Now this is a charming idea, and maybe a handy one too – fleets of solar sails delivering pictures of distant worlds back to the home planet.
Data is a valuable commodity in the Information Age, just as spices and silk were in centuries past. So Joel Poncy and his team at Thales Alenia Space have imagined clipper ships cruising the solar system, loaded to the gunwales with...data.
In a paper presented at the recent European Planetary Science Congress (here's a PDF version), Poncy et al. conceive of a solar-sailing data clipper that would fly close to an orbiter circling a distant planet, upload its data, then return to Earth to dump the stored terabytes. “Space-rated flash memories will soon be able to store the huge quantities of data needed for the global mapping of planetary bodies in high resolution," said Poncy in a press release. "But a full high-res map of, say, Europa or Titan, would take several decades to download from a traditional orbiter, even using very large antennae. Downloading data is the major design driver for interplanetary missions. We think that data clippers would be a very efficient way of overcoming this bottleneck.”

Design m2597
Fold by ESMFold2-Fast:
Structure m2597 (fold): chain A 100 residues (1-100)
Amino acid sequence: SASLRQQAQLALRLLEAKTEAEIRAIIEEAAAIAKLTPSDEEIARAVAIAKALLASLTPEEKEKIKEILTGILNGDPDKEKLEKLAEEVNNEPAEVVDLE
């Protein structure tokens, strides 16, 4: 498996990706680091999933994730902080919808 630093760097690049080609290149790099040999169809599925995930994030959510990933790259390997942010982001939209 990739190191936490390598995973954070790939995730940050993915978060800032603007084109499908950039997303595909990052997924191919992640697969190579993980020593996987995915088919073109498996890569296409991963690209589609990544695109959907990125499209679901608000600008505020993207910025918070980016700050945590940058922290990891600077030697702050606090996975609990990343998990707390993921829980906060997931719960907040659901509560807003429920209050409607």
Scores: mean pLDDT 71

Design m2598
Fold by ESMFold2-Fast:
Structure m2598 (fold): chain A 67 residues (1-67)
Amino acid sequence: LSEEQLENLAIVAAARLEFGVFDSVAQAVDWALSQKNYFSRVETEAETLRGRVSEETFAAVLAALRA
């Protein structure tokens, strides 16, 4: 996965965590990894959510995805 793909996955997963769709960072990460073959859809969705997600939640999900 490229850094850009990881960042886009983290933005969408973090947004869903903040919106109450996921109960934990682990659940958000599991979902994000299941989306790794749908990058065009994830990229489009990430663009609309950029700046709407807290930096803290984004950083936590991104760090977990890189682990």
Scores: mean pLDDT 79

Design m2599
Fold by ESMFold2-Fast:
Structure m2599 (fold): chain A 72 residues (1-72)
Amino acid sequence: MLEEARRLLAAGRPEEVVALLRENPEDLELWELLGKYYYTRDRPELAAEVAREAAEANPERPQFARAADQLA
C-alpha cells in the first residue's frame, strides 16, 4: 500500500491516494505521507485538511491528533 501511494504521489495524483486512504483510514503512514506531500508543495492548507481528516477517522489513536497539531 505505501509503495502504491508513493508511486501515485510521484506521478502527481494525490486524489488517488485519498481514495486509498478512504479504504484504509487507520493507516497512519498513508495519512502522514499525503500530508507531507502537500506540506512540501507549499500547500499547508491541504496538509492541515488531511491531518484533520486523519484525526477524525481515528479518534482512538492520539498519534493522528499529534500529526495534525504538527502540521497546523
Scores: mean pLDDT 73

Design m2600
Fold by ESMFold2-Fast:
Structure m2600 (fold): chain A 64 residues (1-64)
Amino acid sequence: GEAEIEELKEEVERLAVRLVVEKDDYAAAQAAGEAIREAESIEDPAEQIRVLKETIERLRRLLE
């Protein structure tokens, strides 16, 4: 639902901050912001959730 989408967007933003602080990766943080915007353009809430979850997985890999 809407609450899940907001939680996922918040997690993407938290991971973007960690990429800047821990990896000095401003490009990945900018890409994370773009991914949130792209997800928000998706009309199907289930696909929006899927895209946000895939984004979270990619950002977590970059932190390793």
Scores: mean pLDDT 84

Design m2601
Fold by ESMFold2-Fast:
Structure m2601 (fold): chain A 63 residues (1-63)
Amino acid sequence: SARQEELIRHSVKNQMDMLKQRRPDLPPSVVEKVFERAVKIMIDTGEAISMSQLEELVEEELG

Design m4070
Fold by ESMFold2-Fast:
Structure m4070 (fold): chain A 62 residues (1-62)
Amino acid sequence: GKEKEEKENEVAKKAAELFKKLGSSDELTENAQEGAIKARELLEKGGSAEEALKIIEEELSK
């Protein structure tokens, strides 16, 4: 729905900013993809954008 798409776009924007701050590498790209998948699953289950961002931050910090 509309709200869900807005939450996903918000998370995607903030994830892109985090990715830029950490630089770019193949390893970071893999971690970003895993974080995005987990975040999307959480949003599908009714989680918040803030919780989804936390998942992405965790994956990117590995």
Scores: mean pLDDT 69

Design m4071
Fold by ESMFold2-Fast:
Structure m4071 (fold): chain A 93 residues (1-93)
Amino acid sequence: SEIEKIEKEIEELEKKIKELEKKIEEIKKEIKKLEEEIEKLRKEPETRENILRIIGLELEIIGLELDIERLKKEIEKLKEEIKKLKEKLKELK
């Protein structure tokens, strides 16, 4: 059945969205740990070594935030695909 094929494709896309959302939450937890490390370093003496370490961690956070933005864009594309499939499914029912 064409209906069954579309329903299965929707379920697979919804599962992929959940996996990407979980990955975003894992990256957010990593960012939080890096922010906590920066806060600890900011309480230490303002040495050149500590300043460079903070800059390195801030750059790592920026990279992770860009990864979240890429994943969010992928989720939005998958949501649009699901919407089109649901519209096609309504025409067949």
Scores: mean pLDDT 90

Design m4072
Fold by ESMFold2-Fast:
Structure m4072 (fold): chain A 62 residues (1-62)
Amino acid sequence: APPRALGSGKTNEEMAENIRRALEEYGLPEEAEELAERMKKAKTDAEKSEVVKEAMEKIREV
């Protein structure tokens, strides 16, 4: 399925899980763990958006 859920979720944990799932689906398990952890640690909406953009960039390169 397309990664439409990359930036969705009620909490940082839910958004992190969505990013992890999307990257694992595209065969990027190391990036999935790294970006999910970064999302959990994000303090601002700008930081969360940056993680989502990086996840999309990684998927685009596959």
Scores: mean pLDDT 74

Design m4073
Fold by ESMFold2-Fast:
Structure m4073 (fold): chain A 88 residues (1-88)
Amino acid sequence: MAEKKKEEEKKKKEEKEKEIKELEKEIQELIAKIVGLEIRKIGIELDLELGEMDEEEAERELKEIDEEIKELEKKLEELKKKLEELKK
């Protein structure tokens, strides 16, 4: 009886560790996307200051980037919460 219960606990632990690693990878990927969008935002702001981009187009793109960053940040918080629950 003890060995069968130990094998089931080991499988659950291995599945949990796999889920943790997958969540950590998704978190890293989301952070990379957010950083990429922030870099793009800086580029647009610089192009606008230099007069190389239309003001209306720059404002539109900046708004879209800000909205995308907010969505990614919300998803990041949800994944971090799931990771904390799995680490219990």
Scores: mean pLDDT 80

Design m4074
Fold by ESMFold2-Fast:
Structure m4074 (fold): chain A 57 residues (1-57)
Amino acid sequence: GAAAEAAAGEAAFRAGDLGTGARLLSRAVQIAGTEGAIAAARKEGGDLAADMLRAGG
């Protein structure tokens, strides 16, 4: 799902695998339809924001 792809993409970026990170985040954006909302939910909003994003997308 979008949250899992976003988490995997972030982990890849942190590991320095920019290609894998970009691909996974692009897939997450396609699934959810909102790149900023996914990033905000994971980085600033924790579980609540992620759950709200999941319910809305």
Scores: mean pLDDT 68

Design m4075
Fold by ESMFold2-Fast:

And it may be a concept whose technological time has come. After years of speculation and aborted launch attempts, one solar sail, Japan's IKAROS, is already flying, and another, NASA's NanoSail-D, is scheduled for launch on November 19 from Alaska. An identical NanoSail was destroyed on the failed launch of the third Falcon 1 rocket in 2008. This time a Minotaur IV will provide the ride.